At the June 23 meeting near Apalachicola, the Florida Fish and Wildlife Conservation Commission (FWC) approved measures to conserve bay scallops in the St. Joseph Bay area. The measures include delaying and shortening the recreational bay scallop season so it will open Aug. 22, run through Sept. 5, 2016 (Labor Day), and will close to harvest Sept. 6, as well as changing the daily bag limit to 40 scallops per person or 200 per vessel, whichever is less, in all waters west of St. Vincent Island through the west bank of Mexico Beach Canal in Bay County.
Ongoing research and monitoring results indicate bay scallops in Gulf County were negatively impacted during a 2015 red tide event in the area. There has not been any red tide observed in the bay since January, and areas east of Gulf County do not appear to have been impacted.
The FWC has been working closely with Gulf County in a coordinated and cooperative effort to minimize negative impacts associated with potential low scallop numbers this summer. The FWC will continue monitoring the bay, and is currently conducting restoration efforts. FWC researchers have already collected 650 scallops and placed them in cages in the bay to help promote spawning, and will continue to collect more scallops for restoration purposes. Caged scallops will be marked. Tampering with or scalloping in areas near cages that are marked with no scalloping signage is prohibited.
In areas east of the western point of St. Vincent Island through the Pasco-Hernando county line, the 2016 bay scallop season will open June 25 through Sept. 24, closing Sept. 25 and the bag limit remains 2 gallons of whole bay scallops or 1 pint of meat per person, per day, with a vessel limit of 10 gallons of whole bay scallops or a half-gallon of meat. Areas west of the Mexico Beach Canal in Bay County are closed to bay scallop harvest.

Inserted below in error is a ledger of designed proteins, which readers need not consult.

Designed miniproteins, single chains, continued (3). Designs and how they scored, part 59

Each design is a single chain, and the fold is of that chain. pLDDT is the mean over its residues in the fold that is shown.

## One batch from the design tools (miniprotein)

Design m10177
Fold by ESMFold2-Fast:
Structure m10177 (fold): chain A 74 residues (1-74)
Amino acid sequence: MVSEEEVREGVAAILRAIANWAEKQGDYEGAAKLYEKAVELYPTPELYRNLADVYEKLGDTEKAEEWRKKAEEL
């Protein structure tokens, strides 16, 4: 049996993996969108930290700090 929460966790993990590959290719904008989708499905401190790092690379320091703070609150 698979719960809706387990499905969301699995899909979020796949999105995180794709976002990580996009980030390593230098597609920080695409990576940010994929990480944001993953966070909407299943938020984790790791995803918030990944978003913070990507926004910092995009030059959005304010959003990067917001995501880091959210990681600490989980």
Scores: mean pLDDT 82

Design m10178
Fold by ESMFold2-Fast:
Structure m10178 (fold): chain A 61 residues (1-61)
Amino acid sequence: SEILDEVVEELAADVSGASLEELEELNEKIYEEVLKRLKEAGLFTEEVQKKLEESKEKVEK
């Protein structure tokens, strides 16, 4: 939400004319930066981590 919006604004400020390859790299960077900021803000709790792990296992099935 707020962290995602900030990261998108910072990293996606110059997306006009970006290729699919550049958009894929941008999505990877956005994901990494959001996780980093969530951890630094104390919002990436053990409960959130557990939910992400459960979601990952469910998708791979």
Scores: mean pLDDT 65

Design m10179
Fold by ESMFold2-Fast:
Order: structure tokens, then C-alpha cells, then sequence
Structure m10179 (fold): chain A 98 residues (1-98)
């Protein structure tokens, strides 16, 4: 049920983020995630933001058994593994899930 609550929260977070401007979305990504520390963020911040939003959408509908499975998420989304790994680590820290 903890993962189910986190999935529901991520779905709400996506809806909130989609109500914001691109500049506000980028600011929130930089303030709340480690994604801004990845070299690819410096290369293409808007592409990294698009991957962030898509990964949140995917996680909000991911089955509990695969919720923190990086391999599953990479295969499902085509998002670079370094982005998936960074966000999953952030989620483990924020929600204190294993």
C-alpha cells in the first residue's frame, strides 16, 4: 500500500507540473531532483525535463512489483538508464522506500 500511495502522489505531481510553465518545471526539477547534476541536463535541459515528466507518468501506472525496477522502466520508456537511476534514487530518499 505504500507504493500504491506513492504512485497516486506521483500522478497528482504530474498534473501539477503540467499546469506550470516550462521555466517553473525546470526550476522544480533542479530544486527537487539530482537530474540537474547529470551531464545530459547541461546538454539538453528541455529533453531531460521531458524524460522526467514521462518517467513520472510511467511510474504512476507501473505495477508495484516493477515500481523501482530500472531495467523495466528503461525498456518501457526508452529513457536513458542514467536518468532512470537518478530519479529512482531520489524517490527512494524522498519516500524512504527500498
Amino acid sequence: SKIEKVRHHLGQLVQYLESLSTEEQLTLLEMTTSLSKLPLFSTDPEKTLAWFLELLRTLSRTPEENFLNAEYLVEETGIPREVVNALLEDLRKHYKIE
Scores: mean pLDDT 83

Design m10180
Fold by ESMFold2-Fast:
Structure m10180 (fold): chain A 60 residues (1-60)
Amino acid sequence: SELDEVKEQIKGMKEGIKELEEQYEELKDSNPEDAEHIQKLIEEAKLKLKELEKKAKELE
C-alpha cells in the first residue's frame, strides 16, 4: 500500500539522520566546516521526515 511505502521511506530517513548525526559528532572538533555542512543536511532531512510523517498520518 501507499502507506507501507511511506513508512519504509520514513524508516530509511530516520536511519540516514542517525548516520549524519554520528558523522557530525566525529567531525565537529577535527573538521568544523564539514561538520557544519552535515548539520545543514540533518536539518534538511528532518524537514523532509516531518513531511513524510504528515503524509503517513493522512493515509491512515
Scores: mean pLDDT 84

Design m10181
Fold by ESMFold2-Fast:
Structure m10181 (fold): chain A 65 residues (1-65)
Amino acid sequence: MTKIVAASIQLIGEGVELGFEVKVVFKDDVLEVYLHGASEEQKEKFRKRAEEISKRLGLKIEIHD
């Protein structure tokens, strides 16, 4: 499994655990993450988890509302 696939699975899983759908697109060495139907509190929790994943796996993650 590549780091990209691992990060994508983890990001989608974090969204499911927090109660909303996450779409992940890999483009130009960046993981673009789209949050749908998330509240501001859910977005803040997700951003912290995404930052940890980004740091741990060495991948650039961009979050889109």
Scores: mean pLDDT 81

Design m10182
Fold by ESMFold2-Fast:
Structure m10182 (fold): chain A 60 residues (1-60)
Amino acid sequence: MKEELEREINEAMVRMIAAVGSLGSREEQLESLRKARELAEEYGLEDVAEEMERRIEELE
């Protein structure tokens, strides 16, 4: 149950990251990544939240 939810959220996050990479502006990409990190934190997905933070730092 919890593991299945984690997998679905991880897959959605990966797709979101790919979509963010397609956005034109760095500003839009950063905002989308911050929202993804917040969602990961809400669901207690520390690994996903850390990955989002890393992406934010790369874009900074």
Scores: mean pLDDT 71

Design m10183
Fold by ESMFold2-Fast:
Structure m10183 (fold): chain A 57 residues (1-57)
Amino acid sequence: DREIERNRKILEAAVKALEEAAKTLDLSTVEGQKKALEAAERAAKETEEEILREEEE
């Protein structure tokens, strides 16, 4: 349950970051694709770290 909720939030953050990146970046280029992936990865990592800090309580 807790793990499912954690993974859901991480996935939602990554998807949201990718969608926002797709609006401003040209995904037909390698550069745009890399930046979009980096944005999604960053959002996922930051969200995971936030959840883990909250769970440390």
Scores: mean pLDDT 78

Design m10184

Scallops may be collected by hand or with a landing or dip net, and must be landed within the area that is open to harvest.
There is no commercial harvest allowed for bay scallops in Florida.
Be safe when diving for scallops. Stay within 300 feet of a properly displayed divers-down warning device (flag, buoy, etc.) when scalloping in open water and within 100 feet of a properly displayed divers-down warning device if on a river, inlet or navigation channel. Boat operators traveling within 300 feet of a divers-down warning device in open water or 100 feet of one on a river, inlet or navigational channel must slow to idle speed. Learn more about divers down warning devices at MyFWC.com/Boating by clicking on “Regulations.”
Help FWC’s scallop researchers by completing an online survey at http://svy.mk/bayscallops. Harvesters can indicate where they harvest scallops, how many they collect and how long it takes to harvest them. Participants can email BayScallops@MyFWC.com to ask questions or send additional information.
Learn more about long-term trends in the open and closed scalloping areas by visiting MyFWC.com/Research and clicking on “Saltwater,” “Mollusc,” “Bay Scallops” and “Season.”
For regulation updates, visit MyFWC.com/Fishing and click on “Saltwater,” “Recreational Regulations” and “Bay Scallops.”